Workforce shortages at these facilities would disproportionately harm the disadvantaged, underserved and uninsured communities whom these facilities more often serve, the coalition said. Service cuts would also be in the cards as provider organizations contend with tens of millions of dollars in increased annual costs, they said.
“We all agree healthcare workers are heroes, but this Unequal Pay Ordinance is deeply flawed, inequitable and will hurt workers and patients,” the coalition said.
The city and proponents of the measure viewed much of the opposition as a push for profits.
In the ordinance’s text, the city highlighted “huge profits in the billions of dollars” and “increasing profit margins” health systems have seen during the pandemic. The city government wrote that “the healthcare industry needs to use some of its profits to fairly compensate workers who are sacrificing every day to care for patients.”
In a release celebrating the ordinance’s signing, SEIU-UHW said healthcare employers “have failed to compensate us for our dedication and sacrifices” and “have more than enough to raise wages.”
The group noted similar wage increase efforts ongoing in eight other California cities as well as a push to bring the $25 minimum to all of the state’s healthcare workers.
In a statement to the Los Angeles Times, SEIU-UHW spokesperson Renée Saldaña said the hospitals “are out of step with local voters if they think the solution is to slash wages for the caregivers who got us through the pandemic. … The problem that needs to be addressed is bloated executive compensation that is driving up healthcare costs for Angelenos.”
George Greene, president and CEO of the Hospital Association of Southern California, told the paper that many of the region’s hospitals are “reeling” financially due to the pandemic. He also said the city passed the ordinance without conducting any type of analysis regarding the impact it would have on the area’s hospitals.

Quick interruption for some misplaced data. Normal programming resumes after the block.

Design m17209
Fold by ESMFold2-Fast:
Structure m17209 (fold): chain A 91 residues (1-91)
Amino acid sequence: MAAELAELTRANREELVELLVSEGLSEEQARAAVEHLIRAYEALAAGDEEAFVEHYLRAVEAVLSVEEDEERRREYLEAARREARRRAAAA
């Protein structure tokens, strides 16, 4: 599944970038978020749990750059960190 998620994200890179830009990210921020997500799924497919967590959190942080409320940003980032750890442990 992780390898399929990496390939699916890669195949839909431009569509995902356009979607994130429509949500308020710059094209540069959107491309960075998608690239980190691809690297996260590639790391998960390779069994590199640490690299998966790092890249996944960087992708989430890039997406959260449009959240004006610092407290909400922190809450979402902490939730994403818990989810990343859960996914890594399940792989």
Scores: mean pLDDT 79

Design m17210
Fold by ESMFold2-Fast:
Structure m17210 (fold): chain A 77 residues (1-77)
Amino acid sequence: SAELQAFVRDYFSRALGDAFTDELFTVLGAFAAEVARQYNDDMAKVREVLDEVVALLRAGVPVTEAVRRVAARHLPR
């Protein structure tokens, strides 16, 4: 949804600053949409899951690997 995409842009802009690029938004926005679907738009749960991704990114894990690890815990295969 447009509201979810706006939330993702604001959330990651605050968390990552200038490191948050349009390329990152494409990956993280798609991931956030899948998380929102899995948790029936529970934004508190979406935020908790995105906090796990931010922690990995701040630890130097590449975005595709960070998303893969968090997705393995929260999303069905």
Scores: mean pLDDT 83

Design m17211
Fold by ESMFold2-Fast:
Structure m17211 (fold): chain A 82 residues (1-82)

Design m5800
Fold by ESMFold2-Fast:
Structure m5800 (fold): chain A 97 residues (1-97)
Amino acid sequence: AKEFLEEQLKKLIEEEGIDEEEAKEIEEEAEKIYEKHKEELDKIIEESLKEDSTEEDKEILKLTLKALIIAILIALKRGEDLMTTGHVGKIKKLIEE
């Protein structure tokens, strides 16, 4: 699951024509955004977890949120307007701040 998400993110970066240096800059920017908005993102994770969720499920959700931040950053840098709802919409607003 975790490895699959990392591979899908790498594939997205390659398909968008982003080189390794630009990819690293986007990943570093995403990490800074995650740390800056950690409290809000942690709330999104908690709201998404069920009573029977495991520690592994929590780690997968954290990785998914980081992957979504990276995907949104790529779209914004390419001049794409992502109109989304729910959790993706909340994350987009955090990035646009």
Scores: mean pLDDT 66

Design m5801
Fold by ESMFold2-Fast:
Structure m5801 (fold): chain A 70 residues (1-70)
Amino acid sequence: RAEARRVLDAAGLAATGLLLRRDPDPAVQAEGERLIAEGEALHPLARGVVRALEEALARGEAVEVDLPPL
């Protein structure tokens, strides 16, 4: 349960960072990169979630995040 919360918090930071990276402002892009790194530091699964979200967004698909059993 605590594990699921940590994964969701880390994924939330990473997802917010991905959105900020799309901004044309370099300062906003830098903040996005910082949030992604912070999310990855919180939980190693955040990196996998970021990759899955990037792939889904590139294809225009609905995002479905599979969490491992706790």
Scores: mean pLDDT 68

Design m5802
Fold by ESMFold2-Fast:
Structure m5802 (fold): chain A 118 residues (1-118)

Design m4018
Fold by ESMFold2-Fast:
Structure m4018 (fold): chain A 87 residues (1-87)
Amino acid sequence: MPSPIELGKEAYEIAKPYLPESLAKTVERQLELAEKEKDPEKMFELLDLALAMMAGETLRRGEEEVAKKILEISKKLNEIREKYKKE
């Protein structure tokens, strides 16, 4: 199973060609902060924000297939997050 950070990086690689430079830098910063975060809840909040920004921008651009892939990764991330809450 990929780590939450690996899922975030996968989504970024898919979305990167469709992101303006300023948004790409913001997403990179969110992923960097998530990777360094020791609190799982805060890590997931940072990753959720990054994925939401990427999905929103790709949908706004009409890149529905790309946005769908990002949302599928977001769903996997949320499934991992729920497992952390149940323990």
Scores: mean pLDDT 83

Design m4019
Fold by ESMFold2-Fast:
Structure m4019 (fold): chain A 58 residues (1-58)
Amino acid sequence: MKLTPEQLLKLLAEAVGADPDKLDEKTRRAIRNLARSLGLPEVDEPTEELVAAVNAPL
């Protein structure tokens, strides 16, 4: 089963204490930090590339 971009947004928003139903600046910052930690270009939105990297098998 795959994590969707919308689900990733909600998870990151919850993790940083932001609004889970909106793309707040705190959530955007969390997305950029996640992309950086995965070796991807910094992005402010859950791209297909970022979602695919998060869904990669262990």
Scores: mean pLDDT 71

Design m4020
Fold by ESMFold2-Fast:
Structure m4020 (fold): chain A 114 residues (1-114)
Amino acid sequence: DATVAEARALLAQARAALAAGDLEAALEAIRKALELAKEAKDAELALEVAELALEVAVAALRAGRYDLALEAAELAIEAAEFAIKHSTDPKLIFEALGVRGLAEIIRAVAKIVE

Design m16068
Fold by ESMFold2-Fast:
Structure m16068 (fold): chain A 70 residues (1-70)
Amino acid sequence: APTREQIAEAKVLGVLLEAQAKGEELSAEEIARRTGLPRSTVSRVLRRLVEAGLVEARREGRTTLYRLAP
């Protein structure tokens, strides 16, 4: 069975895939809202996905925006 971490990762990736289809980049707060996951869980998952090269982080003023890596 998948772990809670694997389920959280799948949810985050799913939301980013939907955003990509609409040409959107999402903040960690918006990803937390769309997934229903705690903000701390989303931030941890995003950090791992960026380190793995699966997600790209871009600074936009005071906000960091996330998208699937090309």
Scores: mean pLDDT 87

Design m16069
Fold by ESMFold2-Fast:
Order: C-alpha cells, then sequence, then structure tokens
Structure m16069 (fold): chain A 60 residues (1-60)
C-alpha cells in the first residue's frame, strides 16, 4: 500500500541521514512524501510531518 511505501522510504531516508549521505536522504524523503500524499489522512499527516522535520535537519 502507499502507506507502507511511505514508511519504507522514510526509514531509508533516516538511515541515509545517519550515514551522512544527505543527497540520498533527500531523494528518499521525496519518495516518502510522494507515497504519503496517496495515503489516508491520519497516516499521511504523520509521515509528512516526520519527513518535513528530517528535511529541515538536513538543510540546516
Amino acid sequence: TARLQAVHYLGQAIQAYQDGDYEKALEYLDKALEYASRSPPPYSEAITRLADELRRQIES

Johns Hopkins University and Johns Hopkins Health System, both based in Baltimore, are boosting their minimum wage to $15 per hour, they said May 6.
The change will take effect July 1, in accordance with annual pay increases for university employees. For health system employees, including more than 300 at Johns Hopkins All Children’s Hospital in St. Petersburg, Fla., the change will take effect Jan. 1.
“Moving to a $15 minimum wage recognizes the hard work and sacrifices Hopkins employees make every day to advance our mission and serve our patients,” Johns Hopkins Health System President Kevin Sowers said in a news release. “We are proud to announce our adoption of a $15 per hour minimum wage even sooner than planned.”
Johns Hopkins said the minimum wage boost includes full-time temporary workers, student workers and contract employees.
Overall, the increase affects more than 6,000 Maryland workers, in addition to the more than 300 Johns Hopkins All Children’s workers in Florida.
Twenty states and dozens of localities increased their minimum wage on Friday, giving a financial boost to many frontline workers during the pandemic.
New Mexico will see the largest jump, adding $1.50 to its hourly minimum and bringing it up to $10.50. Arkansas, California, Illinois and New Jersey will each increase their minimum wages by $1.
Alaska, Maine and South Dakota will increase wages by just 15 cents an hour, while the rate in Minnesota will rise by half that, at 8 cents, to $10.08 an hour.